I note that Senator Ruane's proposed amendment makes specific reference to health benefits, as the Senator mentioned in her contribution. This proposal to undertake a review falls outside the scope of the Bill to my mind. I reiterate a point I made on Second Stage. This is a short, technical Bill which deals only with extending the provision of health services to this new cohort of women. It is separate from the Quirke report. The Act provides for a range of primary community health services. The service provided in the context of the principal Act in respect of women who qualify under the scheme addresses the health circumstances that are typical of the over 60 age cohort. Three quarters of the Magdalen cohort were reported as being 60 years or over.
Separate from this circumstance, men, women and children who contracted hepatitis C through the administration within the State of contaminated blood and blood products are entitled to healthcare services under the terms of the Health (Amendment) Act 1996. There are certain eligibility criteria which a person must meet before being awarded the HAA card, including confirmation that the applicant has hepatitis C as a result of having received contaminated blood and-or blood products. The arrangements in respect of the HAA are clearly based on a person having been infected with hepatitis C and, consequently, hepatitis C-specific medicines and treatments are covered by that card.The health and social care services being provided in these respective circumstances are for specifically designated purposes. They are also individually focused to meet the health needs of what I might describe as somewhat or indeed very different cohorts of persons requiring access to packages of targeted health supports. On the matter of the setting up of the ex gratiascheme, Mr. Justice Quirke pointed out that the scheme introduced under the 1996 Act was aimed specifically at those who contracted hepatitis C as a result of contaminated blood transfusions. Some of the benefits were not directly applicable and the scheme would require suitable adaptation. The scheme proposed for the Magdalen women does have such adaptations. People suffering from hepatitis C required some products outside of the normal range of drugs available. In this scheme, provision is being made for a number of health services to be provided by referral by a medical practitioner or nurse. I wish to emphasise that the rationale for this measure is not intended in any way to restrict access, as the focus is firmly on the health needs of the women. Rather, the objective of such referral is to ensure that the healthcare provided will be appropriate and will be co-ordinated so as to enhance continuity of care through the general practitioner, who is the primary contact with the health service for any individual. In this way, referral will ensure that all care provided will be most appropriate to the need of each participant.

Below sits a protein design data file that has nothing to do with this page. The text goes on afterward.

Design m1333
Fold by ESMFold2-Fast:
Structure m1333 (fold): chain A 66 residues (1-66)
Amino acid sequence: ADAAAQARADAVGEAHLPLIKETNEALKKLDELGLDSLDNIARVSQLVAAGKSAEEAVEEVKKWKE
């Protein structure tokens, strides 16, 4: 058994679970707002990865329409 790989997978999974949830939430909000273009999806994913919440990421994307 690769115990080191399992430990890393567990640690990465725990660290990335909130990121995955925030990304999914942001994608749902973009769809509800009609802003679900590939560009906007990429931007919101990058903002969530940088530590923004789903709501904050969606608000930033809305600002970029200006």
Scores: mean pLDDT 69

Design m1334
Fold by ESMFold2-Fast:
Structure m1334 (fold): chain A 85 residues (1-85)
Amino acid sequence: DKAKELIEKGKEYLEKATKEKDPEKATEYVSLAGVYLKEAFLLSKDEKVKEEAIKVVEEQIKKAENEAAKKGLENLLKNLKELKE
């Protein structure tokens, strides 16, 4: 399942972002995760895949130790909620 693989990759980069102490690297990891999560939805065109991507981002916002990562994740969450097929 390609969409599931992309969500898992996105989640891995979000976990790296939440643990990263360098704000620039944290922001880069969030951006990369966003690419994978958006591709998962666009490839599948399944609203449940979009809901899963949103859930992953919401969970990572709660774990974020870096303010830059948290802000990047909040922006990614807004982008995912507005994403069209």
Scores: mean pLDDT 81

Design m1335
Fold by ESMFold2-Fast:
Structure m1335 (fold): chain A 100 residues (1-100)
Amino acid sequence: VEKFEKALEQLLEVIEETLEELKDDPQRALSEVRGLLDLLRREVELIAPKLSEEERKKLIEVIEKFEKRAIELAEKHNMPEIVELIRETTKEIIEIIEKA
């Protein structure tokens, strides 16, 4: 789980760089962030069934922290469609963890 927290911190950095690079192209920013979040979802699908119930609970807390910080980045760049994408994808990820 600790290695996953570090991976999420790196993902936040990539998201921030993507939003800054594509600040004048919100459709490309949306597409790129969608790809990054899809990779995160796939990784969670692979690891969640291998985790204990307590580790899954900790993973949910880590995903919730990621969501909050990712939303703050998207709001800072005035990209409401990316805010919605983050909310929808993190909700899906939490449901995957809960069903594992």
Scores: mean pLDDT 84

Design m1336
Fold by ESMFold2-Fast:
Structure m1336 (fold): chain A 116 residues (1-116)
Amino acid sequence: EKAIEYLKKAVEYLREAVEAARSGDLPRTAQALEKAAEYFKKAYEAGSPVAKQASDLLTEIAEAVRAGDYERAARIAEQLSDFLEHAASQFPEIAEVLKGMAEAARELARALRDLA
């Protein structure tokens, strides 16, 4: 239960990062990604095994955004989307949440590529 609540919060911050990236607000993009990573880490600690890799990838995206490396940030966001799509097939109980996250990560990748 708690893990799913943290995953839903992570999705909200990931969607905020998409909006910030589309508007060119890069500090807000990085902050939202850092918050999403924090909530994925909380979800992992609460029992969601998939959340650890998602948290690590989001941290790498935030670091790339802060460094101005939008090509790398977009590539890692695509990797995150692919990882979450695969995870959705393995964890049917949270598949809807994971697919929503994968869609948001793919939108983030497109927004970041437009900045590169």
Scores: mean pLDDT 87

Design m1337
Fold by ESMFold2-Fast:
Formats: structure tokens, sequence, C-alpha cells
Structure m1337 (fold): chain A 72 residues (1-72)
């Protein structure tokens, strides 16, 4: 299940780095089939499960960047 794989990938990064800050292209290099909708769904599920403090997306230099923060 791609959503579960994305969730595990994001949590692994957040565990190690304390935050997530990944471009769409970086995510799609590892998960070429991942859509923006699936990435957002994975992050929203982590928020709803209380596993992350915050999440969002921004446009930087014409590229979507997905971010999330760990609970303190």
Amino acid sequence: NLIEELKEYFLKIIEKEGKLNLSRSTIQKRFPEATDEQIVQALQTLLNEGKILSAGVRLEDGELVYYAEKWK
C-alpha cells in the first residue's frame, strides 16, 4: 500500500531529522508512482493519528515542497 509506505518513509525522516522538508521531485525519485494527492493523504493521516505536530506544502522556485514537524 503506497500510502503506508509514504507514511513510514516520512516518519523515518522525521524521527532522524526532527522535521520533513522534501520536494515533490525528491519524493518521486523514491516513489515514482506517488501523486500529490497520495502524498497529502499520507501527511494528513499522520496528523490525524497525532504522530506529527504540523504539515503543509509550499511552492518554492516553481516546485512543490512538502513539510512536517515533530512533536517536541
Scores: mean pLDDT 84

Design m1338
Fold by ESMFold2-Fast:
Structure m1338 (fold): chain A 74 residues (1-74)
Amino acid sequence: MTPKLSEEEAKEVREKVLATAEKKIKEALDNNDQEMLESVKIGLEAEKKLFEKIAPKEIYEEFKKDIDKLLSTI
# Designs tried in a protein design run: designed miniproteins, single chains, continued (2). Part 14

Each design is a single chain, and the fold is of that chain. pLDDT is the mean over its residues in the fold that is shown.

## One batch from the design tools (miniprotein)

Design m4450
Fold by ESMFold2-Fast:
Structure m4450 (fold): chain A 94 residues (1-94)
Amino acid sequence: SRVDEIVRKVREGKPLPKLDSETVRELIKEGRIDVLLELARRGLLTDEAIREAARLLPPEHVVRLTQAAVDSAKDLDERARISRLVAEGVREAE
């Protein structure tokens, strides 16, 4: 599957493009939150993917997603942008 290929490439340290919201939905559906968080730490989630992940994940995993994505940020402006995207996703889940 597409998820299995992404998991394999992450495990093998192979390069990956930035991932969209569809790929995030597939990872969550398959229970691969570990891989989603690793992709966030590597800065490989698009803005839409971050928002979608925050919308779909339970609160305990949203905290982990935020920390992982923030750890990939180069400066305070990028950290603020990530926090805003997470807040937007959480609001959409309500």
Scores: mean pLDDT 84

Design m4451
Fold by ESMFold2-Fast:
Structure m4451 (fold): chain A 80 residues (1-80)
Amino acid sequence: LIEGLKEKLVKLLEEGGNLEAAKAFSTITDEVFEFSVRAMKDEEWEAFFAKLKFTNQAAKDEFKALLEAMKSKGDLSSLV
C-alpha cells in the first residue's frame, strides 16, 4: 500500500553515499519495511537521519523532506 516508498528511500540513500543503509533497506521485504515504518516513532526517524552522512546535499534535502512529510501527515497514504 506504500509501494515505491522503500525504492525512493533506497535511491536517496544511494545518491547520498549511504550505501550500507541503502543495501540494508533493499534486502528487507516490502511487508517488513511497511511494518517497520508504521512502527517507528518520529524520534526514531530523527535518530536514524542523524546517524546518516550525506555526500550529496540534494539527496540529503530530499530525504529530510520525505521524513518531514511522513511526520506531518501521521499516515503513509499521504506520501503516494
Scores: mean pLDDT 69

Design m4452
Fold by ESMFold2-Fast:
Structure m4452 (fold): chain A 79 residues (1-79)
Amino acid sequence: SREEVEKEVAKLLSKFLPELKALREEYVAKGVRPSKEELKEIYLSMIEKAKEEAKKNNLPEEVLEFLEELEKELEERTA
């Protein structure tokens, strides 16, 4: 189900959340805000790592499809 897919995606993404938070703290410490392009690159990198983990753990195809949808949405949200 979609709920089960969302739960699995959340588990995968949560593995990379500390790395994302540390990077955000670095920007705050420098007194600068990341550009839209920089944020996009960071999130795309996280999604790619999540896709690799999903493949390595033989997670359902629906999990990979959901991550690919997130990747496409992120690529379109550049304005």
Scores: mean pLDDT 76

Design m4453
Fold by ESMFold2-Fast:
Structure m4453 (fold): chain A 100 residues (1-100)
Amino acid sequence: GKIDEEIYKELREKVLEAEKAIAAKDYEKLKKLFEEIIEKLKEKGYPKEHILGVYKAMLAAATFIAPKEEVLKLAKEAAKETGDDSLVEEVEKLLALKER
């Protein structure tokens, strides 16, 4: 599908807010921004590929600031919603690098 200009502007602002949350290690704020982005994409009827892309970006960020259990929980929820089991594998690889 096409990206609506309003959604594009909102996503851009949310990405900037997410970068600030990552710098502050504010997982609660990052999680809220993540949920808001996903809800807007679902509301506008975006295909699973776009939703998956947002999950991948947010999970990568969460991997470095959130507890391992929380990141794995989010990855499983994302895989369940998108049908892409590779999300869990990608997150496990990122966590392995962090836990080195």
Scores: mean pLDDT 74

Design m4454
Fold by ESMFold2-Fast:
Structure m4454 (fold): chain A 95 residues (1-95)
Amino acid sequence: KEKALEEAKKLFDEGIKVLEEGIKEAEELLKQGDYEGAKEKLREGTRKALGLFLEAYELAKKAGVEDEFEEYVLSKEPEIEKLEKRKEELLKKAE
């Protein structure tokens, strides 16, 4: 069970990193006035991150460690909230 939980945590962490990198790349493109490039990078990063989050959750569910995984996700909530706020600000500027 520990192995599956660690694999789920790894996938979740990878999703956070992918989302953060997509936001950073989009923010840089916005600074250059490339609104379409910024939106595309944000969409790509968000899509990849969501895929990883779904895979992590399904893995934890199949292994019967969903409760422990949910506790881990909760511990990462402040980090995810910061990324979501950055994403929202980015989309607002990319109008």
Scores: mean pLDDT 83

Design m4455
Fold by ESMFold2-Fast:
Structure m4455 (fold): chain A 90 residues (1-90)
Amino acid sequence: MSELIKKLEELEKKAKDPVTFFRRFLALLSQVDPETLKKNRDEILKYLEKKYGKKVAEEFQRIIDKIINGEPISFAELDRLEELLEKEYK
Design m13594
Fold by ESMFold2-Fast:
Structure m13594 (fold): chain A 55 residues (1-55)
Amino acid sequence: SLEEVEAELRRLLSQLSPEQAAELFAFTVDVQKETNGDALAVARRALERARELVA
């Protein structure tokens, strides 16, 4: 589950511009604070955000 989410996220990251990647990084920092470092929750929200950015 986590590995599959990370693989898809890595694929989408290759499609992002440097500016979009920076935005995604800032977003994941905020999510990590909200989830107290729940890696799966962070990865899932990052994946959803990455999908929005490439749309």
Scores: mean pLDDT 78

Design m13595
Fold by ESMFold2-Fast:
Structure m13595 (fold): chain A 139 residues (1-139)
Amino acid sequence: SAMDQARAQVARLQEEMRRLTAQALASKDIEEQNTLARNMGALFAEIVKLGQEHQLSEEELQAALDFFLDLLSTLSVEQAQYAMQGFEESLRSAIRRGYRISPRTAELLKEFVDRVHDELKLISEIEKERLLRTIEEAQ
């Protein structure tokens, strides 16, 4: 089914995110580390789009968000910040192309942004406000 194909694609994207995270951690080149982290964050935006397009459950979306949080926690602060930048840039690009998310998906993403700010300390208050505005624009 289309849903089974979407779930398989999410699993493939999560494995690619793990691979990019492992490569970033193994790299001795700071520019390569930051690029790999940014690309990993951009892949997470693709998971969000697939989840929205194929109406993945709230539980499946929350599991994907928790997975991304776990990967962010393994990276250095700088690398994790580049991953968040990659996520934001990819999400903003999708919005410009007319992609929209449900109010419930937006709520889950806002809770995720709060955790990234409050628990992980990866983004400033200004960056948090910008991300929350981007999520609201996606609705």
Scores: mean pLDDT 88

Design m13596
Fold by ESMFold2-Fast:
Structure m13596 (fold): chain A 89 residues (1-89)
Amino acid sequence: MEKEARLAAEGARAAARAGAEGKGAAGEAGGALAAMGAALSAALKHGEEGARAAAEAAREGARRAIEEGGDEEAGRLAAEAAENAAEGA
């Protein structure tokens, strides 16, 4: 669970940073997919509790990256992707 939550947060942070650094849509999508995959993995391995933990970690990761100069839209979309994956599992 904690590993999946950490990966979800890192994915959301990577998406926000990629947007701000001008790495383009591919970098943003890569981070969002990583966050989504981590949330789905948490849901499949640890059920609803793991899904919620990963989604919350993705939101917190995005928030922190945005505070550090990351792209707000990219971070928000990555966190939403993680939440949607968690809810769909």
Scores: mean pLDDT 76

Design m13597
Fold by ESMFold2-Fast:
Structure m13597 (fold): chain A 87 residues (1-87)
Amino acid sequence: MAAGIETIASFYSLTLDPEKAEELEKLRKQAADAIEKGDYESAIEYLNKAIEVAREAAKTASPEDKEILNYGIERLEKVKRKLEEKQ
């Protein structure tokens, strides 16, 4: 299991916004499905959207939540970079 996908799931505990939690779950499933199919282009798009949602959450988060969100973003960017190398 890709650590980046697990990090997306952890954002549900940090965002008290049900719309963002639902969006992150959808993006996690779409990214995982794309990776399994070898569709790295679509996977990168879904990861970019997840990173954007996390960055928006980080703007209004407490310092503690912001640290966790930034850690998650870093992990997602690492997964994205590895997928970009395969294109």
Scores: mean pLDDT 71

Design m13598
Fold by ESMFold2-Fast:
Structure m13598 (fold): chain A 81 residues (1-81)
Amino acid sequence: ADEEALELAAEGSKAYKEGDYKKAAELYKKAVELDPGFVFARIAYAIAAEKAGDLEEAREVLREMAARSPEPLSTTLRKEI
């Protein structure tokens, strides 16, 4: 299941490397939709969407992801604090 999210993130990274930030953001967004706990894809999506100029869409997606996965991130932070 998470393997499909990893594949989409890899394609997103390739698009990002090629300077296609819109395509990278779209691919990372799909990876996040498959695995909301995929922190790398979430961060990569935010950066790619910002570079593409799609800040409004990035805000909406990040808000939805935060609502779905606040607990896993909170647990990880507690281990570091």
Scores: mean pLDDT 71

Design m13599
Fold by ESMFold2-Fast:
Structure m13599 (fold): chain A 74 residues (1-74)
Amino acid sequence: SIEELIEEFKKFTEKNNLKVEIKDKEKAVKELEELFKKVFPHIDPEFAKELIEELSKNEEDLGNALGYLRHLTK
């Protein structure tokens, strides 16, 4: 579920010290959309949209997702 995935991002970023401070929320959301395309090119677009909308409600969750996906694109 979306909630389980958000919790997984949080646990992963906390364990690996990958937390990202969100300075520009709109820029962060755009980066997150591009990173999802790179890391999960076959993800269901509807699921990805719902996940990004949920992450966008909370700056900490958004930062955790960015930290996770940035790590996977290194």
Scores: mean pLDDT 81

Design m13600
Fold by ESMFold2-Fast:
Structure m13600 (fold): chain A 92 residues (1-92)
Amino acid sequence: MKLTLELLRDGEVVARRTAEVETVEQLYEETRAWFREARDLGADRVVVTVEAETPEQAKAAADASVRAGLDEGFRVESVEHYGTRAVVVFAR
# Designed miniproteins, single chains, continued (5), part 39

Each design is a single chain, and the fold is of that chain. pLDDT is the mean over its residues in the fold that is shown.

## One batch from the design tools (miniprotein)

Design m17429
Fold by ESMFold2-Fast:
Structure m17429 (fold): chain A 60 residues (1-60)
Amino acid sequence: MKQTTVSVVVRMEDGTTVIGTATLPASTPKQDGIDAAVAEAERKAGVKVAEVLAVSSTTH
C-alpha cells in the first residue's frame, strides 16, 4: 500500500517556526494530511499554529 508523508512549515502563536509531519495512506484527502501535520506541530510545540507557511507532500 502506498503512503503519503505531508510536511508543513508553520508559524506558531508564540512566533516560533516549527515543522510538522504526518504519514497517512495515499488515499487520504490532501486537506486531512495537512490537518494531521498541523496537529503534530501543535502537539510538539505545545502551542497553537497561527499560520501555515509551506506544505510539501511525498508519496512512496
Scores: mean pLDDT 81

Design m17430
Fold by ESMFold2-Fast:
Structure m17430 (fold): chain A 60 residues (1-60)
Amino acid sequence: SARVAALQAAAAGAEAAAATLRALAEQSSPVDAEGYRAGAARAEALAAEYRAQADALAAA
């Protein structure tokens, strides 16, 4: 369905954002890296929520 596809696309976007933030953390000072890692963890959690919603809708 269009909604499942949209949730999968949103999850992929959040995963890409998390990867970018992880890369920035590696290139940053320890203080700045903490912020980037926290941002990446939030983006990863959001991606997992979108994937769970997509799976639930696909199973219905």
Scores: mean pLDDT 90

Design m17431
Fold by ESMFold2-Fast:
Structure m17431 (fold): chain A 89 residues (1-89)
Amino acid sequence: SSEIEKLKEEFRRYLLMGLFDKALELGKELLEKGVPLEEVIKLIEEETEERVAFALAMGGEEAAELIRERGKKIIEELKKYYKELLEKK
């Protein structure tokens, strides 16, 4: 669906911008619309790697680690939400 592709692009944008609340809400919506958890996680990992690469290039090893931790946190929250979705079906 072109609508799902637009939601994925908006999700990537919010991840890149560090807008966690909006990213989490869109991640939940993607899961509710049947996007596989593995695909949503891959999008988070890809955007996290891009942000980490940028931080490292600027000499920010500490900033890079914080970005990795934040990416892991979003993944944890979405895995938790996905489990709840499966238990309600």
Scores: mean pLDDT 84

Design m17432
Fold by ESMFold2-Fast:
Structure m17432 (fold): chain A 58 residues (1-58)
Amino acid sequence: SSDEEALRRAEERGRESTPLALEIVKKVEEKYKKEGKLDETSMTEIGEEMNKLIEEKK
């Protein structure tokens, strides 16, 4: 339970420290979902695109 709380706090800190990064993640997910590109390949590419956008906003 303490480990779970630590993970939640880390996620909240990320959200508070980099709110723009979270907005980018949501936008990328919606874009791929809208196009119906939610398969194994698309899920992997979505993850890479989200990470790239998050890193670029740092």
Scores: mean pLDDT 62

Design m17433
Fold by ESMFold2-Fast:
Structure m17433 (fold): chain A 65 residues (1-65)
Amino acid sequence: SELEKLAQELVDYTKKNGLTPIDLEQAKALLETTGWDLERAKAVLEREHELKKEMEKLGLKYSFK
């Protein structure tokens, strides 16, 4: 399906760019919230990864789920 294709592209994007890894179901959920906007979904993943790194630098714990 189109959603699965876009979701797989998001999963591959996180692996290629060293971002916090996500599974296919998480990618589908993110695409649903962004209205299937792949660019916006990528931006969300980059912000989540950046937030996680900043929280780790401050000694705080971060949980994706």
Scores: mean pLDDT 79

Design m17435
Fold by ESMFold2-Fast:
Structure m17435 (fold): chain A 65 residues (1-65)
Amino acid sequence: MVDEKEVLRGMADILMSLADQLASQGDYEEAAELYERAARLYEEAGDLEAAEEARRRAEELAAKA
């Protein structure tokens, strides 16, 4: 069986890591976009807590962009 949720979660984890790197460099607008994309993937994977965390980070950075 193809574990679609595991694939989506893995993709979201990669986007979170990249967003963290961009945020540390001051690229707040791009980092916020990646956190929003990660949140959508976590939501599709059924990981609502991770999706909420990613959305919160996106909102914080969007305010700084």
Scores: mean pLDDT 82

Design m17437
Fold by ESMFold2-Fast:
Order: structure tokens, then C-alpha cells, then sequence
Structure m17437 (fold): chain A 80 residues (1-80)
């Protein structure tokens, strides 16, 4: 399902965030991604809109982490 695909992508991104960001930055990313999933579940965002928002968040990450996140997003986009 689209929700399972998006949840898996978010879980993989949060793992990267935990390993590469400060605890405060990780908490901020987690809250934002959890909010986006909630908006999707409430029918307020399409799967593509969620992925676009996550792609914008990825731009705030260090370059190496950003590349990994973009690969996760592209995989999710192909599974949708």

The effect of the amendment is to seek to oblige me to carry out a review of entitlements to services provided under two distinct pieces of governing legislation, and to make a report to each House of the Oireachtas on the findings of such a review. It is important to note that the Department of Health has already developed separate packages of targeted health supports specifically designed to meet the respective needs of each particular circumstance, with each then underpinned by the appropriate legislation. As the health supports and the necessary legislative basis to underpin them have already been identified and clearly established, it is unclear what purpose a review in the manner proposed could usefully serve at this time.
Furthermore, the amendment would almost certainly have cost implications on the health service over a period of time. It seems clear that the amendment extends beyond the discrete purpose of this specific legislation; therefore, I am not minded to accept it as submitted. As far as I am concerned and having discussed the issue with some of the women directly involved, the object of this legislation is to give effect to the recommendations of the Ombudsman. That is what the Bill is all about. Having regard to the focus of the Bill, discussions I have had with the Ombudsman, and the need to work through the recommendations of the Ombudsman in a progressive manner, to ensure the women are paid and to ensure the State accepts a measure of responsibility in view of the Ombudsman's recommendations, I do not intend to depart from the fundamental goal of the Bill.
To be fair to the Minister and to the House, while it is suggested on the document in front of me that Report Stage be taken next Tuesday, in the circumstances, many of us thought we may wish to conclude business today.